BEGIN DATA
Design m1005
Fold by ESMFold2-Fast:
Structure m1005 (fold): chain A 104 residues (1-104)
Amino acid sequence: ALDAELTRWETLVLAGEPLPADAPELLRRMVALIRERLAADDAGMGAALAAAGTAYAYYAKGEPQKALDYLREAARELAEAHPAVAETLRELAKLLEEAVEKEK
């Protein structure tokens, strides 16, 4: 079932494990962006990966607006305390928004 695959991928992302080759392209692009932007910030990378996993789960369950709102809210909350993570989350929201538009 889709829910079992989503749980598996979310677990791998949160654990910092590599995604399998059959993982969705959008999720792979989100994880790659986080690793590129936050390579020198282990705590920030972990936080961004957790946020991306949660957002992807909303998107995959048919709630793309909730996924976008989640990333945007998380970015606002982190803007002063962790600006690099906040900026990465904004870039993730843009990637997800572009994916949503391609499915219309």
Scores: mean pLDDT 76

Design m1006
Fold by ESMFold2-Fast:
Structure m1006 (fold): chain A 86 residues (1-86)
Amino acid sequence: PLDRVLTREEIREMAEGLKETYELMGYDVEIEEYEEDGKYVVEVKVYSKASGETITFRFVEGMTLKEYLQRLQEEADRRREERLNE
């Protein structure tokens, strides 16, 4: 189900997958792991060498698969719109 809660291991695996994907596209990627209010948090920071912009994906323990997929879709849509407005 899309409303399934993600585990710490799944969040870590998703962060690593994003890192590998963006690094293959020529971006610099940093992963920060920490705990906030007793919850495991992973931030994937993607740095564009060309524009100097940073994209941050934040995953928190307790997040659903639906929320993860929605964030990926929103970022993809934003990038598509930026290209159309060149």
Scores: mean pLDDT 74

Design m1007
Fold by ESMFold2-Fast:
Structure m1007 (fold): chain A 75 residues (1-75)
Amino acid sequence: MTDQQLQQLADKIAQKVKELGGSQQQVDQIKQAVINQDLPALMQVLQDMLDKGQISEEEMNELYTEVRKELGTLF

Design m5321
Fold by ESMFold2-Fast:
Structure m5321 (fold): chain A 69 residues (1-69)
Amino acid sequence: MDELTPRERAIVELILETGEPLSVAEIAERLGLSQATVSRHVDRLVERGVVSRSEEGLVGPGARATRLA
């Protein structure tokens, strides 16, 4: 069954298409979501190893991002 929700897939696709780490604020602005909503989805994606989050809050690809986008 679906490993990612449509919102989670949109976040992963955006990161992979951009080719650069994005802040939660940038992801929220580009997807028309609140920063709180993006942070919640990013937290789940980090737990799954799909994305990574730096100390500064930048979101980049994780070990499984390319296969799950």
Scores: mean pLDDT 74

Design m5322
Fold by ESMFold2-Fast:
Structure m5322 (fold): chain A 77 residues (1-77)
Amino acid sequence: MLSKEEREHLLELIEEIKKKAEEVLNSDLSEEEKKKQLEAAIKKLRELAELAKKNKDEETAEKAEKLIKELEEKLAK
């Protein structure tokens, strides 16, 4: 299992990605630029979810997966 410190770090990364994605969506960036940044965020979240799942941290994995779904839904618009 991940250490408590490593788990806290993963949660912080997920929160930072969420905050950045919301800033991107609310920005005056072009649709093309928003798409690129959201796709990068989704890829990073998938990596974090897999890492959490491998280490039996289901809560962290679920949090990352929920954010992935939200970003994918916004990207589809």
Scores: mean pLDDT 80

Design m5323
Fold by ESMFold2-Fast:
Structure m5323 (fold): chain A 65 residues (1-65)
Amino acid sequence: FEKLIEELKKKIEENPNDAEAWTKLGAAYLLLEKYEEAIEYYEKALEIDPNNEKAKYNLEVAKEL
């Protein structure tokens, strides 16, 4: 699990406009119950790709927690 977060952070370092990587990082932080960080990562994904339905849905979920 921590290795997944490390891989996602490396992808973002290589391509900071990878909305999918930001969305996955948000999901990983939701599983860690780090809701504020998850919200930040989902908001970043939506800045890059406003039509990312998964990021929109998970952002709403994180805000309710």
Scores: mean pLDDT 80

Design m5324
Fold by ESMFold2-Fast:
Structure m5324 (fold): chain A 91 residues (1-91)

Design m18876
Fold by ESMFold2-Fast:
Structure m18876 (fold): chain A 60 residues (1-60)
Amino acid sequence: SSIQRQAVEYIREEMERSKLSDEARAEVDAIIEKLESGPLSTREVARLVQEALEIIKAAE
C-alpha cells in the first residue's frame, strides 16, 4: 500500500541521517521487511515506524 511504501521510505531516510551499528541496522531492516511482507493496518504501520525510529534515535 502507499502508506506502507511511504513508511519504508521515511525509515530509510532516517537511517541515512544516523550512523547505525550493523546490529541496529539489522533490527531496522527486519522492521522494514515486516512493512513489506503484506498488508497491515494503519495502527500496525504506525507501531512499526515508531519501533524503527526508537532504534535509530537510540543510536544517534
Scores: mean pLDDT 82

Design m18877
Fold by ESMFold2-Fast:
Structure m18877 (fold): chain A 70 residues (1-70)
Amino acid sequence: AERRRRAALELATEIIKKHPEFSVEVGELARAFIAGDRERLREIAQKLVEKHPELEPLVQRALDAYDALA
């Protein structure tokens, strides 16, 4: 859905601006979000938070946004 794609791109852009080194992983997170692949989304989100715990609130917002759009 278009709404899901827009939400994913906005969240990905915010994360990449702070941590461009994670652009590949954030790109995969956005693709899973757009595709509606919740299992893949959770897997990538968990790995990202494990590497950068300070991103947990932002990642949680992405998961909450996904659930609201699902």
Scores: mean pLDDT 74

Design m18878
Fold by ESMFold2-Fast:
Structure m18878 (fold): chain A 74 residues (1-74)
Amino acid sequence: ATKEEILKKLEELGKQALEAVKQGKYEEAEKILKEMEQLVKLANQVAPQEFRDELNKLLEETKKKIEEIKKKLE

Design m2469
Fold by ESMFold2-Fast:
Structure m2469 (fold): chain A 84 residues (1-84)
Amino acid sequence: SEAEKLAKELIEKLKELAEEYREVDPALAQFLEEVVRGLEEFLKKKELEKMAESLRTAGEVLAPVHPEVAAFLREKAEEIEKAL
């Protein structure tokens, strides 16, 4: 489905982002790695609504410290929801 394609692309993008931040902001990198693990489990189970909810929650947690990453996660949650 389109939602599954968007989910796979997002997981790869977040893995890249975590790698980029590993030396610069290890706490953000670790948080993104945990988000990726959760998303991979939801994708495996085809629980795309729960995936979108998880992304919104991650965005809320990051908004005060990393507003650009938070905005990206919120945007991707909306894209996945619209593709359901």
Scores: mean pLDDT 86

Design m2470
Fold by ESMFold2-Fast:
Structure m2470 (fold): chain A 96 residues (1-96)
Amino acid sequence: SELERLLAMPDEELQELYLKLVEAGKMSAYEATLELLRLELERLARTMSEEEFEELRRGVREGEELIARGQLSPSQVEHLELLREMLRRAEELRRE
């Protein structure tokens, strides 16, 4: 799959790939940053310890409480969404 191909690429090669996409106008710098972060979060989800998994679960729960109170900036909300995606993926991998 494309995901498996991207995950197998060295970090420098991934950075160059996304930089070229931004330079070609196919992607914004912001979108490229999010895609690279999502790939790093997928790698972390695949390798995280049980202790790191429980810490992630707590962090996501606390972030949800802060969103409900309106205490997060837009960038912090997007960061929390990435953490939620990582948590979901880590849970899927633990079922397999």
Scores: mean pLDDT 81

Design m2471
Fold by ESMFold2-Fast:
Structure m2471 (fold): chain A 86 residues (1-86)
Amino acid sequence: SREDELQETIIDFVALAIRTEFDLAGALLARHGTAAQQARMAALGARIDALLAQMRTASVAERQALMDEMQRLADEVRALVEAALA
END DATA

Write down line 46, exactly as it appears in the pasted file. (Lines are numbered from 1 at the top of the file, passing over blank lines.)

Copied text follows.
Structure m18877 (fold): chain A 70 residues (1-70)